Stanstead Abbotts, St James Church
Stanstead Abbotts, St James Church
There are two churches in the village of Stanstead Abbotts. St James' is the older of the pair, and served as the parish church from the 12th century until St Andrew's was built in 1882.
St James's church is a lovely building, and dates primarily to the 12th century, with additions over the next four centuries. There is a nave, small chancel, a sizeable north chapel, and south porch, with an early 15th century west tower. The church is entered through the timber framed porch, added in the 15th century. The nave roof is 15th century, to a king-post design.

The interior features Georgian box pews and a 16th century triple-decker pulpit. The benefice website says that the church is an excellent venue for occasional musical performances - despite the unusually high box pews! There are numerous funerary monuments and fragments of medieval glass. The font is a circular 13th century bowl joined to a 13th century base by a 15th century stem.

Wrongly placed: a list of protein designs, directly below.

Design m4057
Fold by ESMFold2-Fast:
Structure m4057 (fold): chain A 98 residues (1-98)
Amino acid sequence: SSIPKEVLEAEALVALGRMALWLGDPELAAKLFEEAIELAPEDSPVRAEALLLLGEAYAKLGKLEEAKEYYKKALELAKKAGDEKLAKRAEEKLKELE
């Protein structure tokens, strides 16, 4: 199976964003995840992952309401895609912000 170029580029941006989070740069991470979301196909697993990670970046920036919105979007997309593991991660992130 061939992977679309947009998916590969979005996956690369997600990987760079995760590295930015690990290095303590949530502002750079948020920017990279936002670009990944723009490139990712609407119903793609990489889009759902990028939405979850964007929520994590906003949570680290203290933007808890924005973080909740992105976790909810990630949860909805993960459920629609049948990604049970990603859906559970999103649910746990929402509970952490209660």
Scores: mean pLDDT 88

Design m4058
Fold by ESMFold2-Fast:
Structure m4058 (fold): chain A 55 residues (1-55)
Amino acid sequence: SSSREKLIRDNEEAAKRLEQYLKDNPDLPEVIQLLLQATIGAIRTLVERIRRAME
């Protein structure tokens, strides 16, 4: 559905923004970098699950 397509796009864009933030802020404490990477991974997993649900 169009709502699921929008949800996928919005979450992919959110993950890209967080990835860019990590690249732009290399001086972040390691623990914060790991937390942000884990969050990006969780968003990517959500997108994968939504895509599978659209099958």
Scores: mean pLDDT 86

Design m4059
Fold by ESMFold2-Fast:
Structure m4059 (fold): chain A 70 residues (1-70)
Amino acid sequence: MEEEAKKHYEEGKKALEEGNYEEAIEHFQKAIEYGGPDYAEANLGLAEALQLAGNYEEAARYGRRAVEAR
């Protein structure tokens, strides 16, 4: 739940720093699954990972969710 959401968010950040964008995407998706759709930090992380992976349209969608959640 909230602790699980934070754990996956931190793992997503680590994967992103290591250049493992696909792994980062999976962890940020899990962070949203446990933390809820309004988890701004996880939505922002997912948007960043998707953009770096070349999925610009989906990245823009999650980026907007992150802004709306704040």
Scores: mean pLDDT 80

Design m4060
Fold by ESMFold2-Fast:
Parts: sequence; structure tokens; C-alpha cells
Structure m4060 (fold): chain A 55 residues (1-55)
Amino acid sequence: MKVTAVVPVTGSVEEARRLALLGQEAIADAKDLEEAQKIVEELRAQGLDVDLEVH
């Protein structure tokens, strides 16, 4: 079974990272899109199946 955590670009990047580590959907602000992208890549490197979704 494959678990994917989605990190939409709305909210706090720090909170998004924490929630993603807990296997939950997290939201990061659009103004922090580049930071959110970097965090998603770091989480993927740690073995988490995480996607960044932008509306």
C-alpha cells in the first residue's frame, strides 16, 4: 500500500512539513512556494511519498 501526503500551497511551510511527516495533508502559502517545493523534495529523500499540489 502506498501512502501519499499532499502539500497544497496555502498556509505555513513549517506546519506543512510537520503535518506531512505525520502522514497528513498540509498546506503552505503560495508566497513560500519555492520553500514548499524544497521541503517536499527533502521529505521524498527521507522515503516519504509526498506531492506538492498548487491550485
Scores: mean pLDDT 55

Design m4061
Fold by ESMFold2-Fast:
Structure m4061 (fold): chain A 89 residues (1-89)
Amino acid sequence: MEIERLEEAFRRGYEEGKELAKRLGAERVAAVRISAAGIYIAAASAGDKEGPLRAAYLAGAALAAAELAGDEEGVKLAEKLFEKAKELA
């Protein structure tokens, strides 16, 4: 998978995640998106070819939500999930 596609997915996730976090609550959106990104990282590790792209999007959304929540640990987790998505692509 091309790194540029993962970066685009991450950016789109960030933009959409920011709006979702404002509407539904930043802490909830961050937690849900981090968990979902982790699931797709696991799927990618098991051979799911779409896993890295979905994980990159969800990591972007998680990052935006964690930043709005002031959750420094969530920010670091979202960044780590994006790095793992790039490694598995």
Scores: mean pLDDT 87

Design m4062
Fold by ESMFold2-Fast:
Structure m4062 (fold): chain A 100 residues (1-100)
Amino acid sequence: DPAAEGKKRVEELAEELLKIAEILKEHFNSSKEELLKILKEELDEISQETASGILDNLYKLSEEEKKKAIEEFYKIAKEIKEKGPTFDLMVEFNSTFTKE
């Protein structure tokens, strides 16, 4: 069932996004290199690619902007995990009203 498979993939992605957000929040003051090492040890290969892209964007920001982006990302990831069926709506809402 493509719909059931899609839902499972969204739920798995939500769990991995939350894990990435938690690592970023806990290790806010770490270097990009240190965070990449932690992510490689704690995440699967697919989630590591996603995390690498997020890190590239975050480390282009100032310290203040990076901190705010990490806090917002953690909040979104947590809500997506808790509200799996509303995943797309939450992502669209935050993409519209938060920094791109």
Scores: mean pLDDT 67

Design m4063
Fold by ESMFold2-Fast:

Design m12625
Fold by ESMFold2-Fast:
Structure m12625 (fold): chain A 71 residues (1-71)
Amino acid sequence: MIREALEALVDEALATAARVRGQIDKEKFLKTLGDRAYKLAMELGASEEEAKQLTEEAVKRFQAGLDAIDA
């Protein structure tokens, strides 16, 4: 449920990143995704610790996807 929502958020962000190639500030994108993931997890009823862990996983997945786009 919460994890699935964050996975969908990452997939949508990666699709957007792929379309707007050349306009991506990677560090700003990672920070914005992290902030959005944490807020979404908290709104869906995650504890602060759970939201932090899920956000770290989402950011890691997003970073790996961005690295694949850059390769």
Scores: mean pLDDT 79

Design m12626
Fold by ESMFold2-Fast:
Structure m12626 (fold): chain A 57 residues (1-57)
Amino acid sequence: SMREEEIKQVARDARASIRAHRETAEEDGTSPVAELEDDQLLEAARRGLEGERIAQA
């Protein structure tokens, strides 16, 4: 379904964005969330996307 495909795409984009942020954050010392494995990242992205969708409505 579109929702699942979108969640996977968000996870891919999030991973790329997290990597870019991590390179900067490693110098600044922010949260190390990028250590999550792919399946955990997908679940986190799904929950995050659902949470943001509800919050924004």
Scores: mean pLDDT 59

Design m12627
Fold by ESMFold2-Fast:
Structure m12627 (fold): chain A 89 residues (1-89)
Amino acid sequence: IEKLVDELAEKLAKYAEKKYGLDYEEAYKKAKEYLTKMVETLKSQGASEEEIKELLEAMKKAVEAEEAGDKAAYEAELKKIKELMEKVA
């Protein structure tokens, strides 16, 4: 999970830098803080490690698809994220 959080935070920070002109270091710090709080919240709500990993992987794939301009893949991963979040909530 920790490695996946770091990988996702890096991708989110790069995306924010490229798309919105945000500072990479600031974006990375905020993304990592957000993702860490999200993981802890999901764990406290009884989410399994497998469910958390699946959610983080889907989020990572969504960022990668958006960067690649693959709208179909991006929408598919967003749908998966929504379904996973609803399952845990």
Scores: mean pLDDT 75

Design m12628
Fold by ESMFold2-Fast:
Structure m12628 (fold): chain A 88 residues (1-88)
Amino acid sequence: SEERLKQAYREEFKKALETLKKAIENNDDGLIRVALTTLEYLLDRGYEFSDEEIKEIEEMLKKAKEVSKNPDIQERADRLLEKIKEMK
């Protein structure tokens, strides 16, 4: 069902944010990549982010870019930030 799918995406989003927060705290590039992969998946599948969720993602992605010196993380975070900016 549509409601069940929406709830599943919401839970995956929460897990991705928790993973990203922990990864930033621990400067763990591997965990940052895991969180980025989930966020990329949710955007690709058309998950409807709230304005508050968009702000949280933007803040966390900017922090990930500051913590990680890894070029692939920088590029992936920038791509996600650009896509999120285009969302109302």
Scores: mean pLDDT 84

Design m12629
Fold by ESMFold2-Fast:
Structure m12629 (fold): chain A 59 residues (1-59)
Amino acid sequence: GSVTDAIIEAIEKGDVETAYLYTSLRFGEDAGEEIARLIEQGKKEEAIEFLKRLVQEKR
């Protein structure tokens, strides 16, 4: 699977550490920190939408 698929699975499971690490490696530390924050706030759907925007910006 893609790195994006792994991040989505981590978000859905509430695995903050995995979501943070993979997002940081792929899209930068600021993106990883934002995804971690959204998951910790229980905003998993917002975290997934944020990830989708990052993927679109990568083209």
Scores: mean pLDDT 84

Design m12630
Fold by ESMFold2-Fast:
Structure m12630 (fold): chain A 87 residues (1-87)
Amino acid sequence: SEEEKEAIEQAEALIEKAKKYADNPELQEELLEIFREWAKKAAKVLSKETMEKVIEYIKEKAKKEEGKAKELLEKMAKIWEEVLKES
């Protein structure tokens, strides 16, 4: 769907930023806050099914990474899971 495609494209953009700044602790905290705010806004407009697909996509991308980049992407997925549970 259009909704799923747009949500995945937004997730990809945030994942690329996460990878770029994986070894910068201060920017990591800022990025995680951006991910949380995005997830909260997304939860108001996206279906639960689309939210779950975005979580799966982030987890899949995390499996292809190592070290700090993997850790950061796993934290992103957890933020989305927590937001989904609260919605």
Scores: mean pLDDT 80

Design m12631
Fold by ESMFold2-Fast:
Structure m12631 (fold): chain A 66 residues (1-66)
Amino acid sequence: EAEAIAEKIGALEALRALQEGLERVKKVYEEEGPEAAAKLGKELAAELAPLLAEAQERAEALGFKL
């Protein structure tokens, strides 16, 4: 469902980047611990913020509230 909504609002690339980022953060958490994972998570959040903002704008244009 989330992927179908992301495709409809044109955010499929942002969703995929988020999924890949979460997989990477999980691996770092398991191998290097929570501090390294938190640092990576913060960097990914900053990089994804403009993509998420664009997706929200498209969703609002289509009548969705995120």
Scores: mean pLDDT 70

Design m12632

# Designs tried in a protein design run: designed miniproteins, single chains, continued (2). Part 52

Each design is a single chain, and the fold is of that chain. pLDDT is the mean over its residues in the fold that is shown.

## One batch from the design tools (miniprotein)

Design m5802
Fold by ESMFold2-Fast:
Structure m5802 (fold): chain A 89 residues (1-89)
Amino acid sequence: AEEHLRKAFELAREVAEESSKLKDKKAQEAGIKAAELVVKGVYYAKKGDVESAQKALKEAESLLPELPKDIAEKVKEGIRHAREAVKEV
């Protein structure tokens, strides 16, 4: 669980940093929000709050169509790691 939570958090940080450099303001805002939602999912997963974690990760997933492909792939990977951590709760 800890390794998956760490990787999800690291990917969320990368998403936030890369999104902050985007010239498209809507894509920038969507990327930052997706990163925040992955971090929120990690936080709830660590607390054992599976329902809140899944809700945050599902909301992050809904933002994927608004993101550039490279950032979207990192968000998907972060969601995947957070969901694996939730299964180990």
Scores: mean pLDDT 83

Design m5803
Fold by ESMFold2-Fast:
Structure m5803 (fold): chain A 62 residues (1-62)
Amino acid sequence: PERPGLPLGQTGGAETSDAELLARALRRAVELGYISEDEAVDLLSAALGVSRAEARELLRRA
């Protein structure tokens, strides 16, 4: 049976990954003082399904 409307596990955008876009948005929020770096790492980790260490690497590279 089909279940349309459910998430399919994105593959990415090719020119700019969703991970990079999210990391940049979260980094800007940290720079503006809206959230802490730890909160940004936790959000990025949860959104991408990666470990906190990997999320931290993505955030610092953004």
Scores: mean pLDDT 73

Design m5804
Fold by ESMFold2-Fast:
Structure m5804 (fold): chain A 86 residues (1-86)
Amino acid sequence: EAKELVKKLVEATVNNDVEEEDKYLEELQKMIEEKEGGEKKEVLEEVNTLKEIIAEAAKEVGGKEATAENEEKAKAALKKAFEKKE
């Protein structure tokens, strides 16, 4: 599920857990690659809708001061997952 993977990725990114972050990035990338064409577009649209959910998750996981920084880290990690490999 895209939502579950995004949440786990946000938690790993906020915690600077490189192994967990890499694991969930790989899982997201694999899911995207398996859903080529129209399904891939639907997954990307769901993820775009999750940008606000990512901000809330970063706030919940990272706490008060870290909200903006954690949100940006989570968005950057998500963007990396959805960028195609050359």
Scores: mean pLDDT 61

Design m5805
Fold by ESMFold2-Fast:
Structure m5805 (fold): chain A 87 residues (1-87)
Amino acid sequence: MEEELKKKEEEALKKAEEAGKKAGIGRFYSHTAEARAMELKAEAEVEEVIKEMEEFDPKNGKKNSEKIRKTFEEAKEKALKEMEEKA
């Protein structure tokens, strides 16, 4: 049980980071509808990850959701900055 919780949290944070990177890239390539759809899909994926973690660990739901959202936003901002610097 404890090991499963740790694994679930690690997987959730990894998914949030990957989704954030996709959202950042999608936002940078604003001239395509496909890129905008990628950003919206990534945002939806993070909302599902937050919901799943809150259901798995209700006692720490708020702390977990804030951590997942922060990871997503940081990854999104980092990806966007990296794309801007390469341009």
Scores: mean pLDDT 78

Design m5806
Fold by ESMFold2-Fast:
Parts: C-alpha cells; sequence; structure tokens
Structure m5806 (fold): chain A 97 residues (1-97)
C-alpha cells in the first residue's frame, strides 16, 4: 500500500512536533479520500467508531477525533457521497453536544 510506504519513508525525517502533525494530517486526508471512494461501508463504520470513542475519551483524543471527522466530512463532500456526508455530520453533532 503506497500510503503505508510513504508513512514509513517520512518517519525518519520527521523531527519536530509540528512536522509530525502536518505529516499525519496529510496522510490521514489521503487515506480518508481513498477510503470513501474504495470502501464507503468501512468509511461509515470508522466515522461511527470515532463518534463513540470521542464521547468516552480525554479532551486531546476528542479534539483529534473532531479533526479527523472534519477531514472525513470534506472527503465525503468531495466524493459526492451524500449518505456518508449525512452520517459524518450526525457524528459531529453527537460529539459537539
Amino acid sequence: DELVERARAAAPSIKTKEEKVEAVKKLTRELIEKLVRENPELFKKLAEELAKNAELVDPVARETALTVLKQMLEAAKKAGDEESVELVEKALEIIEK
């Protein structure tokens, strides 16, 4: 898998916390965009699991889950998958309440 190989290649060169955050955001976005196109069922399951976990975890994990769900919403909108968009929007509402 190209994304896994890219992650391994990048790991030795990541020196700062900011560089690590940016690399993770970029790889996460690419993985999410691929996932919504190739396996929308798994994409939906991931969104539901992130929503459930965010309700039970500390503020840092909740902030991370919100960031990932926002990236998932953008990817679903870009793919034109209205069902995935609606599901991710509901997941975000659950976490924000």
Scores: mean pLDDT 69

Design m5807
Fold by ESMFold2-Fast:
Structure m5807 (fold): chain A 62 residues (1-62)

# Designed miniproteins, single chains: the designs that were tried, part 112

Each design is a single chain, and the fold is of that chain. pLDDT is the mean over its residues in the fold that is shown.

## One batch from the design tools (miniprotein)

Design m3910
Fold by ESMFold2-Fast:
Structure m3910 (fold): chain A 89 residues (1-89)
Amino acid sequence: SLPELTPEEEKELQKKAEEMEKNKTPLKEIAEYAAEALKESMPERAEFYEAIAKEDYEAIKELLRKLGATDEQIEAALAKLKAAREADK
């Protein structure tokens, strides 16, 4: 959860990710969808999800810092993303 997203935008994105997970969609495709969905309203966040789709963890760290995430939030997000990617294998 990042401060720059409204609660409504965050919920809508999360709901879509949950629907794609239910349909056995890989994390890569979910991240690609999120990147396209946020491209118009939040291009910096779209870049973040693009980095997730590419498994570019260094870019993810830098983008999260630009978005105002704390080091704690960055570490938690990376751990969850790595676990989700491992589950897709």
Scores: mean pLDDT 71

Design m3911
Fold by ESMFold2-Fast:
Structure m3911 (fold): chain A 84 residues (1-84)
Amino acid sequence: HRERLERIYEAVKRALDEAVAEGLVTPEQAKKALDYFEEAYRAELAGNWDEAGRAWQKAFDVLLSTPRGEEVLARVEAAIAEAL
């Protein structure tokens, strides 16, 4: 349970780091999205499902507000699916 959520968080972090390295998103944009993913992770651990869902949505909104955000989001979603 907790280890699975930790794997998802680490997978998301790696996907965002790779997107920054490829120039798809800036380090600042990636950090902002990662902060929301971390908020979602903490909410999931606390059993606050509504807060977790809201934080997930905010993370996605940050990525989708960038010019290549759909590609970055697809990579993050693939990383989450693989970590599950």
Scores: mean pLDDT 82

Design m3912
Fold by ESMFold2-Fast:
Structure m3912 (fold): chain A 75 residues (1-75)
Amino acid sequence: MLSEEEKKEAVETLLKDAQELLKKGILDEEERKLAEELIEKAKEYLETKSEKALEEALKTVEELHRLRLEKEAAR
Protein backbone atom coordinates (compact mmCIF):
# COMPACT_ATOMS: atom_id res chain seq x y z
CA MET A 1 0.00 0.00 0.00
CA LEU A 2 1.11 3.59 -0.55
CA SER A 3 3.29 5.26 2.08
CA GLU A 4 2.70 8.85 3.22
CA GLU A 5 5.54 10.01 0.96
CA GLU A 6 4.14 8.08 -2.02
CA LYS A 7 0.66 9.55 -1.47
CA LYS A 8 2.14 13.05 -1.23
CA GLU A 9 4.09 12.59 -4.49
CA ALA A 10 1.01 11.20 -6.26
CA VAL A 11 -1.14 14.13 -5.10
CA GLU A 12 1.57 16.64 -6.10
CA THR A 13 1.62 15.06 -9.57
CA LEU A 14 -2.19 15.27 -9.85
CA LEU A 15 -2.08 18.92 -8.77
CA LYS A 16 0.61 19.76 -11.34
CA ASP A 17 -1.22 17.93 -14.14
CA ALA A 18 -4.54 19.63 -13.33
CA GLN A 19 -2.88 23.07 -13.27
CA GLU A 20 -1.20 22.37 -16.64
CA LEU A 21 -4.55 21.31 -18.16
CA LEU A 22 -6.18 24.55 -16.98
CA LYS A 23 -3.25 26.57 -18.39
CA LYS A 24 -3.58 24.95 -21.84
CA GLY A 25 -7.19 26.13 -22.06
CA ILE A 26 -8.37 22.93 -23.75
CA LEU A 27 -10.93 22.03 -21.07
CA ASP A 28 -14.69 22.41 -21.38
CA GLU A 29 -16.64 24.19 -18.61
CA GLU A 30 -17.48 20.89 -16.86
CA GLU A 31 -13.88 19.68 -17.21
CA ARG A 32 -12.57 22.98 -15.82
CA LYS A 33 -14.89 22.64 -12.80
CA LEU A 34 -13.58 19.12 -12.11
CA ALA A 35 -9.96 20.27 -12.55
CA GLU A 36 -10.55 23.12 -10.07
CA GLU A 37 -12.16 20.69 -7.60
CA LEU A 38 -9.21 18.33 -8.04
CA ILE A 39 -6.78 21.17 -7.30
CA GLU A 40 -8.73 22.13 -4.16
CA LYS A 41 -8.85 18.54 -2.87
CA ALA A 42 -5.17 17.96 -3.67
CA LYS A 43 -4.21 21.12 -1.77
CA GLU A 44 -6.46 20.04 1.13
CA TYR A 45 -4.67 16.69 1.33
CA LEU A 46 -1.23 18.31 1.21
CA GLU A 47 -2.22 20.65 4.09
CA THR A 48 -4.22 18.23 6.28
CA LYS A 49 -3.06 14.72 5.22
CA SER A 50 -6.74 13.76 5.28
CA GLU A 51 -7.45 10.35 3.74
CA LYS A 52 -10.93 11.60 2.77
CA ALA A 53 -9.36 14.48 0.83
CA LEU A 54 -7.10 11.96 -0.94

The lower part of a 15th century screen has been adapted to serve as the back of a nave pew. The best of the interior monuments is to be found in the chapel, where figures of Sir Edward Baesh, died 1587, and his wife kneel facing each other in an ornate niche.

There are several interesting brasses; set into the chancel floor is the brass of William Saxaye (d. 1581), who is shown in secular costume. On the chancel wall is a late 15th century brass showing a knight in armour. In the nave is a small mid-16th century brass of an unnamed man and woman holding hands, while nearby are two slabs with brass shields, one bearing the arms of Boteler.

St James' church is no longer in regular use and is in the care of the Churches Conservation Trust.